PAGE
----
ALSO FEATURING

Victoria Rubadiri, a news anchor for NTV Kenya, will moderate the event.

Afrizo, a band that combine English, Swahili and other African languages in to their dance and story-telling performances, and Sarabi, who use a musical fusion of East African rhythms, Afro Beat, rock and reggae, will provide music for the event.

Claudia Meier will provide graphic design during the event. Claudia is a peacebuilder with a passion for photography, process facilitation and all things visual. Since March 2014, she has been Interpeace’s Rwanda and Burundi Programme Officer. As a self-taught graphic recorder, Claudia illustrated Build Peace 2015, an international conference on technology in peacebuilding, and is part of the organizing team for Build Peace 2016.

Nairobi Peace Talks
12 November 2015
16:00-18:00 local time (GMT+3)

ABOUT THE PEACE TALKS

The Nairobi Peace Talks will be held on 12 November 2015 at the United Nations Office at Nairobi (UNON). Organized under the theme ‘I Contribute to Peace’, the event aims to inspire broad reflection on how everyone has a role to play in promoting peace. The event is organized by Interpeace and the National Cohesion and Integration Commission (NCIC) with the generous support of the Embassy of Switzerland in Kenya.

This event will mark the first time the Peace Talks are held in Kenya. Speakers from all over the country, and coming from diverse backgrounds, will share their personal stories and experiences, demonstrating their commitment to peace. The Nairobi Peace Talks will highlight how every individual can contribute to peace in their own unique way, such as by building bridges between communities and pursuing mutual understanding.

Due to limited space at the venue, attendance is by invitation only. The Nairobi Peace Talks will however be filmed and made available on the website. The event will also be webcast live ici.

You can also follow the Nairobi Peace Talks at #NairobiPeaceTalks and at: www.peacetalks.net

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Public participation and citizen engagement - Effective advising in statebuilding and peacebuilding contexts

This document is a background course on effective advising in statebuilding and peacebuilding contexts. It explores the importance of public participation and citizen engagement on issues of public importance.

From rivals to running mates: Seeking peace in Eastern Congo

This is a story about two rival communities whose members went from a history of violence against each other to supporting a joint candidacy for a seat in the provincial parliament. Two years of dialogue and engagement between community leaders, facilitated by Interpeace and our partner, RIO, has helped to make this powerful transformation possible.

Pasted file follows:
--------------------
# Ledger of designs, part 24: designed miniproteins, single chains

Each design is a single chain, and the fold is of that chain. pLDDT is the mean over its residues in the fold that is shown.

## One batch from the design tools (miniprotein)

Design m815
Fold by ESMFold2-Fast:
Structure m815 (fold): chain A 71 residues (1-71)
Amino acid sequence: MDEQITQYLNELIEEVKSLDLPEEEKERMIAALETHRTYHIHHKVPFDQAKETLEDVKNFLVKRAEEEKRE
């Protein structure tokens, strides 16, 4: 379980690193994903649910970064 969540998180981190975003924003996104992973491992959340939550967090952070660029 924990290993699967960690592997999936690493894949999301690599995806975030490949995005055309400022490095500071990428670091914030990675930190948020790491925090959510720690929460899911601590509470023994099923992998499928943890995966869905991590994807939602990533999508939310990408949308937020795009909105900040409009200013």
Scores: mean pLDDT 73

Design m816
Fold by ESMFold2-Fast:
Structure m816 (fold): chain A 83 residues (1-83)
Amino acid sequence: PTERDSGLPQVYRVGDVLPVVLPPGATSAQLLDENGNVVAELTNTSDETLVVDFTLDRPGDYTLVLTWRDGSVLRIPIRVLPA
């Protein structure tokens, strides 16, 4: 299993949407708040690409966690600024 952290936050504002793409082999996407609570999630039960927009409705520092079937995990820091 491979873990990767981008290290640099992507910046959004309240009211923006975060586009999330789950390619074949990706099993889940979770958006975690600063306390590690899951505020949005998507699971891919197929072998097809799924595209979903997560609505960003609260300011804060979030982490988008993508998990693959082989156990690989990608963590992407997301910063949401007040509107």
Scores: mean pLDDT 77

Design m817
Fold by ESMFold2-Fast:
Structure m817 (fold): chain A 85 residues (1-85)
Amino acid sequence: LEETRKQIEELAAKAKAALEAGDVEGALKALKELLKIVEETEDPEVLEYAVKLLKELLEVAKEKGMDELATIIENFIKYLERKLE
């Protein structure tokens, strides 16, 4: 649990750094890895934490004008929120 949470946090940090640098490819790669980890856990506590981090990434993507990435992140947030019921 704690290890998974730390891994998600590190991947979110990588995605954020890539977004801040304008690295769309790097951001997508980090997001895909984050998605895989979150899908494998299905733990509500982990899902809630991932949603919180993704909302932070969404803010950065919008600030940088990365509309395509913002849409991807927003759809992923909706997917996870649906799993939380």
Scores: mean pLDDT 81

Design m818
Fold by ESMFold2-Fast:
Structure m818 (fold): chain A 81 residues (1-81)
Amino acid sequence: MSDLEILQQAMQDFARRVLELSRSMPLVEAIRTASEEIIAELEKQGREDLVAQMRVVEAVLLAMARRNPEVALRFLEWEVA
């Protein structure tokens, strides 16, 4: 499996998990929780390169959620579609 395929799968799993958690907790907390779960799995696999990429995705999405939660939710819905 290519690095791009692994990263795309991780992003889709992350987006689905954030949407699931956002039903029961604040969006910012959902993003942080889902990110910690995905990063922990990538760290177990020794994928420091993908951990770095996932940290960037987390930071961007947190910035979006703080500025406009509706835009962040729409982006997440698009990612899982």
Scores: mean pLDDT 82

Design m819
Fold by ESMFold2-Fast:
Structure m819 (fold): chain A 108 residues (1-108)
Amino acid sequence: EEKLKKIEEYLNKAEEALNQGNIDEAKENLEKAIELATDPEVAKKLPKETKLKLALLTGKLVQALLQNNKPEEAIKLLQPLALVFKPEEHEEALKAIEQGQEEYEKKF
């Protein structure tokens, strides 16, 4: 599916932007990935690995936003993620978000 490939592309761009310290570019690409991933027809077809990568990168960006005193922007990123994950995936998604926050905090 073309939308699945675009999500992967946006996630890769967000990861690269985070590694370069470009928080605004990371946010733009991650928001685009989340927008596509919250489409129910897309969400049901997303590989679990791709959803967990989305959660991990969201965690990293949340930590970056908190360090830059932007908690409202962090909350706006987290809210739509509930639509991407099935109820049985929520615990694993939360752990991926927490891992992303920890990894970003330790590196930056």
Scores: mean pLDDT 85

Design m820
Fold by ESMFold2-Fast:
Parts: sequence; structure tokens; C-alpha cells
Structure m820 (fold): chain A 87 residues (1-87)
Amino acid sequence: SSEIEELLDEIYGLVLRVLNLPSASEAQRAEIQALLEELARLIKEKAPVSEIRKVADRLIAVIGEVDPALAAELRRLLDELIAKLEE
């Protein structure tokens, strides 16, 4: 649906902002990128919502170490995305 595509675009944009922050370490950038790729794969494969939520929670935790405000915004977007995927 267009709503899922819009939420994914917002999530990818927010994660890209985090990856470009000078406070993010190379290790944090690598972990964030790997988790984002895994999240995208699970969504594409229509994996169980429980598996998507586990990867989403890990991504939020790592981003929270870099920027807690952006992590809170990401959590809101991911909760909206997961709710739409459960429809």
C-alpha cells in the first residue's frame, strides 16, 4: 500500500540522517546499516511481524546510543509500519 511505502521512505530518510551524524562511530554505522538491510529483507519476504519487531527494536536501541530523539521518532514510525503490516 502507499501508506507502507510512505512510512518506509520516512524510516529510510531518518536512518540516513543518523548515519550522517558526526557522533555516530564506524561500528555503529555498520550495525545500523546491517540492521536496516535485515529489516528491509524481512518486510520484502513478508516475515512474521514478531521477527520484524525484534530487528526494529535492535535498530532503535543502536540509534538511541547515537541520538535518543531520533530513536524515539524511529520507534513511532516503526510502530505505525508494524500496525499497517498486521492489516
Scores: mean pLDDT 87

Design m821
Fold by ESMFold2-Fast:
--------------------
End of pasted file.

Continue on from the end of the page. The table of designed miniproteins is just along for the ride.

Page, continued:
The Ruzizi Plain is a vast area of fertile land stretching from the Ruzizi River in the eastern part of the Democratic Republic of Congo (DRC). Situated in South Kivu Province, along the DRC’s border with Burundi, the Plain is mostly inhabited by the Bafuliro and Barundi communities.

The Bafuliro and the Barundi have for many decades lived in competition over land and economic opportunities. One of the main areas of contention has been the customary chieftaincy, which plays an important role in local governance. The chieftaincy offers control of the natural resources in the Ruzizi Plain, key among them the arable lands along the Ruzizi River. It also runs tax collection in the local marketplaces and cross-border movement. This by extension includes control over the lucrative cross-border export of minerals and trafficking of narcotics.

A History of Identity-based Tension

The crux of the rivalry is that the Bafuliro consider themselves indigenous Congolese and perceive the Barundi as foreigners of Burundian origin. On their part, the Barundi claim to be the rightful traditional rulers of the Ruzizi Plain, having administered it since the colonial era. The Bafuliro refuse to recognize leadership of the Barundi, and the rivalry between these two communities has periodically fuelled open violence. This identity-based tension is embedded in a nationwide dynamic of animosity in the DR Congo, manifesting itself between communities who consider themselves as “indigenous” versus those perceived as “foreign”. It is essentially a long-running feud between communities that settled earlier within the country’s territorial borders as currently defined and those who arrived decades, centuries or years later. Coupled with political manipulation, these tensions often lead to gruesome violence.

A Crisis of Violence

In 2012, the murder of a traditional Barundi chief touched off a deadly spate of violence between the Bafuliro and the Barundi. The worst incident in the conflict involved a massacre of an estimated 30 people in the village of Mutarule. The Bafuliro seized the opportunity presented by the crisis to reject the continued governance of the traditional chieftaincy, in its place suggesting the broadening of their administrative area from a chefferie (traditional chiefdom) into a sector. This was a tactical move, because according to the country’s constitution, the leader of a sector must be an elected official, a factor that favours the Bafuliro because they hold the majority in the Ruzizi Plain and are thus much better placed to win in any local elections. The Barundi challenged this alternative, terming their right to lead the chiefdom legitimate and non-negotiable.